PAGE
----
Game-changing tech

Could telematics be used to take business away from independents?

Published:  02 March, 2015

By Neil Pattemore

I don't imagine that many of you who are reading this article are unfamiliar with a computer or the internet and how through a connection you can access a lot of information which is of direct interest to you and your business. The modern car has become a 'PC on wheels,' with significant in-vehicle processing capabilities to support a variety of applications that implement and control the proliferation of a vehicle's electronically controlled systems.

Equally, have you ever experienced someone discovering something really interesting that you would also like to know about, but you have no idea how they could have found out about it? How annoying was that! Even worse would be that you knew what you wanted to know, but you had no way of being able to access the information that the other person could. Unfortunately, that feeling may start to become a part of your everyday life when trying to service and repair cars.

The proliferation of vehicle telematics systems, as vehicle manufacturers install in-vehicle communication platforms, will create such a scenario. The VMs are implementing in-vehicle telematics systems, partly to be able to exploit the commercial opportunities that these systems support, but also in preparation for the forthcoming European 'eCall' in-vehicle system that automatically notifies the emergency services in the event of an accident.

You may feel that this is not an important issue for you as you haven't seen many cars in your workshop that are equipped with a telematics system, but for all the wrong reasons, this may not change. As the vehicle manufacturers are able to remain in direct contact with the vehicle owner and monitor the vehicle's condition remotely every time it is being driven, when a service is due, or a fault occurs, the VM is able to directly contact the customer and offer a solution. Something along the lines of, "We see that a fault has occurred with your vehicle, but don't worry, we have booked your car into our dealership next Tuesday at 9am to fix it. Just let us know if this is OK".

You will not know that the problem has happened, but you won't be seeing the car to fix it either. Even if the driver were to call you to say that a warning light has come up on the dashboard, you won't be able to remotely access the vehicle to check what it is and if the vehicle can still be driven safely. When the customer is desperate for a fix, they are likely to go to the easiest place which can provide a solution. Welcome to the world of monopoly through technical innovation!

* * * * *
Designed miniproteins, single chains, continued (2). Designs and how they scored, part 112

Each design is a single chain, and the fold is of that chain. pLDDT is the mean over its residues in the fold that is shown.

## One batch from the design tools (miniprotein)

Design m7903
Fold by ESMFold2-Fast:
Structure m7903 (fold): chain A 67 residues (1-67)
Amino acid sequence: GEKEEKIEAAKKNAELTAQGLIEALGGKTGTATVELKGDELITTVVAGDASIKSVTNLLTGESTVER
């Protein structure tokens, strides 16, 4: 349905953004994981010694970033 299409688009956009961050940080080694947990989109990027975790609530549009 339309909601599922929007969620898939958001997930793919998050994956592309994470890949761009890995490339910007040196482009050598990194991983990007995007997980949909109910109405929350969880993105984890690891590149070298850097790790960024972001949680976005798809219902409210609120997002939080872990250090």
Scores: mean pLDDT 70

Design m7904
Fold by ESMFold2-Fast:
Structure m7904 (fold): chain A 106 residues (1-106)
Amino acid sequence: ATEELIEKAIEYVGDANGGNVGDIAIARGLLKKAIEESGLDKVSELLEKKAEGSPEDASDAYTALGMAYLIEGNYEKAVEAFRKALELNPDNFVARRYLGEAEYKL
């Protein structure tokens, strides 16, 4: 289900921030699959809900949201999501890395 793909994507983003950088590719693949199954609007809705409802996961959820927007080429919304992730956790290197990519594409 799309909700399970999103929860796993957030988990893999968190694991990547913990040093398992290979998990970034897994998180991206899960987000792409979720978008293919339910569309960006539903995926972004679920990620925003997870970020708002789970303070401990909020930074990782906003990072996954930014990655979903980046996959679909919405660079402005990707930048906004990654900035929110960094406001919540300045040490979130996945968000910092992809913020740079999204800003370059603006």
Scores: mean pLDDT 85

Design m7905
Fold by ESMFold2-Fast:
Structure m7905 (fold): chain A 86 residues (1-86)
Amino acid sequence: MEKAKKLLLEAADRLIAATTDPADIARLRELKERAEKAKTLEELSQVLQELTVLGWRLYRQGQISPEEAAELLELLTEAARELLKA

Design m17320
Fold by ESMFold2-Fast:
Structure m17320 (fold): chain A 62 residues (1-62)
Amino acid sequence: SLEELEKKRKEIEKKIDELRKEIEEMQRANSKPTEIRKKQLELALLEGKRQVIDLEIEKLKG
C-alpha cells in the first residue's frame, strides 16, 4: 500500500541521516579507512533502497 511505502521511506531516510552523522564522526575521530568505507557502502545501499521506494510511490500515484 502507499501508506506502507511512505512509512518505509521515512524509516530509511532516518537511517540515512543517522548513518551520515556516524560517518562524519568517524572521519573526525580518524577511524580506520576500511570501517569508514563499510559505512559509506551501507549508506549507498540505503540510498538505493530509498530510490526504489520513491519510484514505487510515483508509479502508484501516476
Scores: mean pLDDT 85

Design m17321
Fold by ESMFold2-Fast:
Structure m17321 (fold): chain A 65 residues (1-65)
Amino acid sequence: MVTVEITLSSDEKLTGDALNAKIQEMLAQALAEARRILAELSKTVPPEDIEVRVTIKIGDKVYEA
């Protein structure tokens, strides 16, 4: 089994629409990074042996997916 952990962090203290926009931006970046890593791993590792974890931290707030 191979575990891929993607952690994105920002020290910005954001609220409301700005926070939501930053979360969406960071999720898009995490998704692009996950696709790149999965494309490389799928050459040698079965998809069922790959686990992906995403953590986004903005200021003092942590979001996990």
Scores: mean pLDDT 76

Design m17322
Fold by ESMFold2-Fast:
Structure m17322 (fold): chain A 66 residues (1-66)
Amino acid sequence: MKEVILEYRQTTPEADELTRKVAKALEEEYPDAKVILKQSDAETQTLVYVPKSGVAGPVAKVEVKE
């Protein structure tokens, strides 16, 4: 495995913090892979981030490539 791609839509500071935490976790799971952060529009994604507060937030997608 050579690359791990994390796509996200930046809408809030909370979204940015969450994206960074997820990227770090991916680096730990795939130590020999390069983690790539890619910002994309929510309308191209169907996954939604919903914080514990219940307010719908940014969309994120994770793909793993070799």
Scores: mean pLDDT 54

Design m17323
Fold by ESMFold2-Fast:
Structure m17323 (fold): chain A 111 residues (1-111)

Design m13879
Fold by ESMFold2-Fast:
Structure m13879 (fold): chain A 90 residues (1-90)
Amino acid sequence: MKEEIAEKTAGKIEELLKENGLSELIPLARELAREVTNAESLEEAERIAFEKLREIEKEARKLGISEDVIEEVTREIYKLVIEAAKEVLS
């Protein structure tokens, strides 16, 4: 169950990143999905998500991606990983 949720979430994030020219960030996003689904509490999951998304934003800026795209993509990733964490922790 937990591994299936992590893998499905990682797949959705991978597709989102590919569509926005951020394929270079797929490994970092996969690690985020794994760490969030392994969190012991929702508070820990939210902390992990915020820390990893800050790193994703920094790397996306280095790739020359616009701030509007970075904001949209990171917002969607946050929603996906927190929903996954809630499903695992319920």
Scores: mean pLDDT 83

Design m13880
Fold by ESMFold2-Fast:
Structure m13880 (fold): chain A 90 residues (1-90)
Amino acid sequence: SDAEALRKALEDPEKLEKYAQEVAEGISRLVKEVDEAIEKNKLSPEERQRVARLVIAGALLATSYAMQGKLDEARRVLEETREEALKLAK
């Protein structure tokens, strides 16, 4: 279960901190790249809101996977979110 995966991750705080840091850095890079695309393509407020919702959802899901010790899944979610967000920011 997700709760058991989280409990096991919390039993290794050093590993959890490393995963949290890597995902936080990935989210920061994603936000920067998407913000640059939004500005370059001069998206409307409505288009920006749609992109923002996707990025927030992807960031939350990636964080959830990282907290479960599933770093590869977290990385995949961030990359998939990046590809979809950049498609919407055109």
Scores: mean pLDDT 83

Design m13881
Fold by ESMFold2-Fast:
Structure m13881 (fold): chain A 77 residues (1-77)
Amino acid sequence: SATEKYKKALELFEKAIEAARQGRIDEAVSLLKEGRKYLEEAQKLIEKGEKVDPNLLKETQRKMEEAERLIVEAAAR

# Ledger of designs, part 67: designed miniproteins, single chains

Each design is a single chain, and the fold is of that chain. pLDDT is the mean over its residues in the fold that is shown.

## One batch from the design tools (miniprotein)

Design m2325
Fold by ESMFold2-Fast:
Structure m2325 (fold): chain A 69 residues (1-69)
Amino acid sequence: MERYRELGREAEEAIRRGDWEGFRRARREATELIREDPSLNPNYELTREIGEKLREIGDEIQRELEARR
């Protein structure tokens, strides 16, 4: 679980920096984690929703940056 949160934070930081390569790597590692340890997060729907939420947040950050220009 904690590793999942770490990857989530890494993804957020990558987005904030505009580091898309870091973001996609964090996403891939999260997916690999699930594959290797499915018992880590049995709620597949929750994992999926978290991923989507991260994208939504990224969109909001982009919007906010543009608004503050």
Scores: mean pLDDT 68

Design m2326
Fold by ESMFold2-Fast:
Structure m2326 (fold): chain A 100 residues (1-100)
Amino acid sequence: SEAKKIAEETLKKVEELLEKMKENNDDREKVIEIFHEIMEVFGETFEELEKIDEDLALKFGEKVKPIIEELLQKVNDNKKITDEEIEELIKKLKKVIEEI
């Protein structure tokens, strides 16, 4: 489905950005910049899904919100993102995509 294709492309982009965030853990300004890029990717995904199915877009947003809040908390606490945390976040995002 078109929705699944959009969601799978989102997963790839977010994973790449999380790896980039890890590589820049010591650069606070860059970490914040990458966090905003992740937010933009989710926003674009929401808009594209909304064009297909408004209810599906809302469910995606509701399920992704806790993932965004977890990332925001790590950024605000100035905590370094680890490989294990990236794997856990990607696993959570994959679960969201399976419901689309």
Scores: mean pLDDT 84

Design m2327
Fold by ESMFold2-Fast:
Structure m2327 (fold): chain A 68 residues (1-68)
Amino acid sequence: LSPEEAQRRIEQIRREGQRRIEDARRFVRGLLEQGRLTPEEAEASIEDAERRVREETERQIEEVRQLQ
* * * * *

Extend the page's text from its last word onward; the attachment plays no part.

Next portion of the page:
So, how big is the problem and when will it start? Firstly, it has already started with many European manufacturers already providing telematics services in their new models, including volume manufacturers like Ford and Renault, as well as the premium brands like BMW and Mercedes.

Ahead of the mandatory introduction of eCall from 31st March 2018, new model designs are already incorporating telematics functions - one of which is eCall. The volume of new vehicles that have an in-vehicle telematics system was 15% in 2014, but is forecasted to rise to 60% in 2019 and 89% by 2024, according to the Connected car report - analysysmason.com.

Quite simply, this is a 'game changing' point in the aftermarket, as the vehicle manufacturer is able to monitor their vehicles and propose a variety of services in a way which has never been possible before. This allows a 'cradle to grave' monitoring of the vehicle and the ability to offer a range of services using their preferred partners, which may not even include their own authorised networks.  Consequently, the aftermarket associations like the IAAF, SMMT, GEA and RMIF are fighting in Brussels to implement an 'interoperable, standardised, secure and open' in-vehicle platform to allow alternative, competitive third party (aftermarket) services to also be possible - a position supported by the European Parliament in the eCall legislation.

However, there are many technical issues to address, especially around safety and security, so the aftermarket, along with many other stakeholders who would like access to in-vehicle data, are working with the European Commission to establish an agreement with the vehicle manufacturers to implement this 'interoperable' platform in the vehicle, together with the means to exchange data with an independent (aftermarket) server, but this is going to be a tough battle.

So, if you really don't think that this is going to be a threat, then just carry on as today, as you may never see the reason for the slow but terminal decline in your business. Alternatively, you could join one of the aftermarket associations who can fight on your behalf, or write to your MEP asking them to support your rights of access to in-vehicle data to be able to continue to offer competitive services, underpinning affordable mobility. The future of the aftermarket could be in your hands.

www.writetothem.com

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